British Columbia

After fleeing Egypt, Vancouver migrant aims to give back to refugees with coding

Omar Sabry fled his native Egypt in 2013 and made his way to Vancouver with almost nothing.

Omar Sabry came to Canada with nothing but 2 suitcases and a laptop

Alex Stickley (left) and Omar Sabry own horriblenoise, a Vancouver clothing company. Sabry wants to help refugees learn coding, a skill he credits for helping him get settled in Vancouver when he fled Egypt. (Ryan Rose)

When Omar Sabry first came to Canada, he had nothing but two suitcases and a laptop.

He fled his home country of Egypt during the political unrest of the Arab Spring in 2013. He made his way to Vancouver on the advice of a friend.

Sabry said it was a desperate time, but things started looking up when he signed up for a coding class at the University of British Columbia.

"It was a stressful time in my life. I remember having to make enough money to pay for [rent and school]," he told CBC's On The Coast on World Refugee Day.

"UBC had a program that was trying to give people who are slightly older a crash course into computer science and they try to connect you with job and employment opportunities. So I applied for that and I somehow got in."

When Omar Sabry first came to Canada, he was sleeping on the floor of a basement suite struggling to make ends meet. (Omar Sabry)

He slept on the floor of a basement during that time, paying tuition with his grandmother's help. 

As his passion for programming grew, he went from the floor to a full-time, well-paying job.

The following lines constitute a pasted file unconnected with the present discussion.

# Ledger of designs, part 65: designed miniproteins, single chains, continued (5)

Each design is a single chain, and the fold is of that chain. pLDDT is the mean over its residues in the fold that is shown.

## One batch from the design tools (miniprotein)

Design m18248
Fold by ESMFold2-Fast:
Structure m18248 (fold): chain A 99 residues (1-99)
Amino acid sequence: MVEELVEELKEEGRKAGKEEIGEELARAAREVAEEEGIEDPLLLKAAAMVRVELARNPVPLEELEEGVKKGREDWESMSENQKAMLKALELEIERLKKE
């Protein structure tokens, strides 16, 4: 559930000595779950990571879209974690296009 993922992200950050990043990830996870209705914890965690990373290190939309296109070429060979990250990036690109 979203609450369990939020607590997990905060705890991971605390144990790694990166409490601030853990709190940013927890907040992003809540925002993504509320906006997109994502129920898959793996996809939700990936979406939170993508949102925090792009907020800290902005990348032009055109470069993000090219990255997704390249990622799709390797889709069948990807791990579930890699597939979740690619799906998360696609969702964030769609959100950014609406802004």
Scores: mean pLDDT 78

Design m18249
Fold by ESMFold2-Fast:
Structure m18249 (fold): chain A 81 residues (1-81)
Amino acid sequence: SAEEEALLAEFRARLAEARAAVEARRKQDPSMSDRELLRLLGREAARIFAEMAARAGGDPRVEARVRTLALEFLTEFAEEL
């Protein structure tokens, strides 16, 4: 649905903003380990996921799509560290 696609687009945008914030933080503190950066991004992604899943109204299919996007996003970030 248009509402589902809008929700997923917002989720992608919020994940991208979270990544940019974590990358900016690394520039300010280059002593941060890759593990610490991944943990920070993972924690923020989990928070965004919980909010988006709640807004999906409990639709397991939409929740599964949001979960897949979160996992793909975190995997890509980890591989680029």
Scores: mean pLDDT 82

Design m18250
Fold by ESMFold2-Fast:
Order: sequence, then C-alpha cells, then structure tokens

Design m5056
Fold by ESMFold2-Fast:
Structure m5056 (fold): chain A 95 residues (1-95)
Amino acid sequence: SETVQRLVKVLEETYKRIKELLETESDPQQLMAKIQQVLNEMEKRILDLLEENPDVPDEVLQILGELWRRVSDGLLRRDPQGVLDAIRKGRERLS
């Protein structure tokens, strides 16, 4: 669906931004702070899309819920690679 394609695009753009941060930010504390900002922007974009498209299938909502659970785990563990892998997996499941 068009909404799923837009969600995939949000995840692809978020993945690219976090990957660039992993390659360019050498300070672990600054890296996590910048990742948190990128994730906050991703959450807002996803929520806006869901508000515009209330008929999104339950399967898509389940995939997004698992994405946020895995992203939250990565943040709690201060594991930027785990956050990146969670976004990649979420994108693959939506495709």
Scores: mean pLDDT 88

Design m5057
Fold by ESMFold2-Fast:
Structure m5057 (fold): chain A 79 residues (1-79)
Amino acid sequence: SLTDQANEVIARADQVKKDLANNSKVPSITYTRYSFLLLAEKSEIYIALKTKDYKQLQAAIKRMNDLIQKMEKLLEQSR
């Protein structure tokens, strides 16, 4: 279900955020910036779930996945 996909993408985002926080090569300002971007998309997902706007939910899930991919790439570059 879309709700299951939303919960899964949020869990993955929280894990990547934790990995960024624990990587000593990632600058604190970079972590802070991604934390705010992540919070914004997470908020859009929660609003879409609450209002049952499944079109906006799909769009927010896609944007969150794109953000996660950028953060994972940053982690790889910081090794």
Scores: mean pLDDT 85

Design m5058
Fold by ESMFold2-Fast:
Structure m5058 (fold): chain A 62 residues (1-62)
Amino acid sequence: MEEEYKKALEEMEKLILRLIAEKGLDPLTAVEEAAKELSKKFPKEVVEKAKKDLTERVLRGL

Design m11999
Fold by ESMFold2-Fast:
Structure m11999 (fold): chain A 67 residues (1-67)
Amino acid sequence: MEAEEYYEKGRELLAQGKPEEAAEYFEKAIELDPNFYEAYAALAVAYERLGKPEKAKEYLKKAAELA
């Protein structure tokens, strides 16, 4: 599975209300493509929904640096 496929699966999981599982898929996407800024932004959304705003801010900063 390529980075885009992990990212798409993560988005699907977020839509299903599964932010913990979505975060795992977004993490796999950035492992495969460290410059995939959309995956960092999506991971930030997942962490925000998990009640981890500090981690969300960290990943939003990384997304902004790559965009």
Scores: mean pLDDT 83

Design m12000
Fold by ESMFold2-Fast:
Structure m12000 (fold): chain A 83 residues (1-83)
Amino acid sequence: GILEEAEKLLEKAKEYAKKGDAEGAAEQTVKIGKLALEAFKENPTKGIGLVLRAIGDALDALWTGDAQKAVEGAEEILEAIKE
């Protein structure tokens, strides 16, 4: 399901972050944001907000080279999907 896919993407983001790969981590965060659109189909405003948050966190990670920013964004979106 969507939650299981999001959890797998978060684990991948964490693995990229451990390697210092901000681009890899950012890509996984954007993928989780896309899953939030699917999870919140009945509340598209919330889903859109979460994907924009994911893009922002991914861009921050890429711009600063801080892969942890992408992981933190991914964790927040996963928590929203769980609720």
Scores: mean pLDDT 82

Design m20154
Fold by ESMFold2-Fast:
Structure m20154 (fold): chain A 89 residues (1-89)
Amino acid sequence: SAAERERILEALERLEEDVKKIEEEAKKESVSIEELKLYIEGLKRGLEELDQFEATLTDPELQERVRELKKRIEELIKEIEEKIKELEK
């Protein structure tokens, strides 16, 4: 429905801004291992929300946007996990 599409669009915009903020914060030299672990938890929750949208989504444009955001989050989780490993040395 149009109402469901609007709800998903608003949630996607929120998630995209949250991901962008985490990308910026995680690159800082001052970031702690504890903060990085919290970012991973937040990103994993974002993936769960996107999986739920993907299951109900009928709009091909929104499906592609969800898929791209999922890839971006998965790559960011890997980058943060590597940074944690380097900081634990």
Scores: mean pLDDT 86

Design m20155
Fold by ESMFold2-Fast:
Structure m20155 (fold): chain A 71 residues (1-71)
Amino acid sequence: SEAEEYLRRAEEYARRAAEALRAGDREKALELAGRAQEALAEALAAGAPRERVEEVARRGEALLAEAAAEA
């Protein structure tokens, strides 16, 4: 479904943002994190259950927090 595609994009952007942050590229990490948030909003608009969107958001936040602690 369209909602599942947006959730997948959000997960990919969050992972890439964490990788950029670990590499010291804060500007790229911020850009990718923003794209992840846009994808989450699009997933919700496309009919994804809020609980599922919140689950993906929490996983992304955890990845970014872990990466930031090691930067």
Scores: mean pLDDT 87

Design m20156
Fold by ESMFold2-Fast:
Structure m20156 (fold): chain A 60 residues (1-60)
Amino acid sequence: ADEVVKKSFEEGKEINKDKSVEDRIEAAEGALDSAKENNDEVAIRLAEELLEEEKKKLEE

He met his business partner Alex Stickley on vacation some time later, and the pair founded a clothing company called "horriblenoise," based in Vancouver. 

Sabry said the skills he picked up in the UBC program — including how to create a website — have helped him as a businessowner.

Now, he wants to help give other refugees the same opportunity for education he had.

Sabry and Stickley are donating a month's worth of proceeds from their business to a charity called Re:Coded, which hosts coding bootcamps for refugees and displaced youth.

"I used to be in a similar position where I was unemployed in a collapsing country in the Middle East and I didn't really have skills that I could use," Sabry said. "So the idea of giving that skill to people in refugee camps just seems like a very good solution."

He said he also hopes to mentor young refugees some time in the future.

Listen to his full story below:

With files from CBC Radio One's On The Coast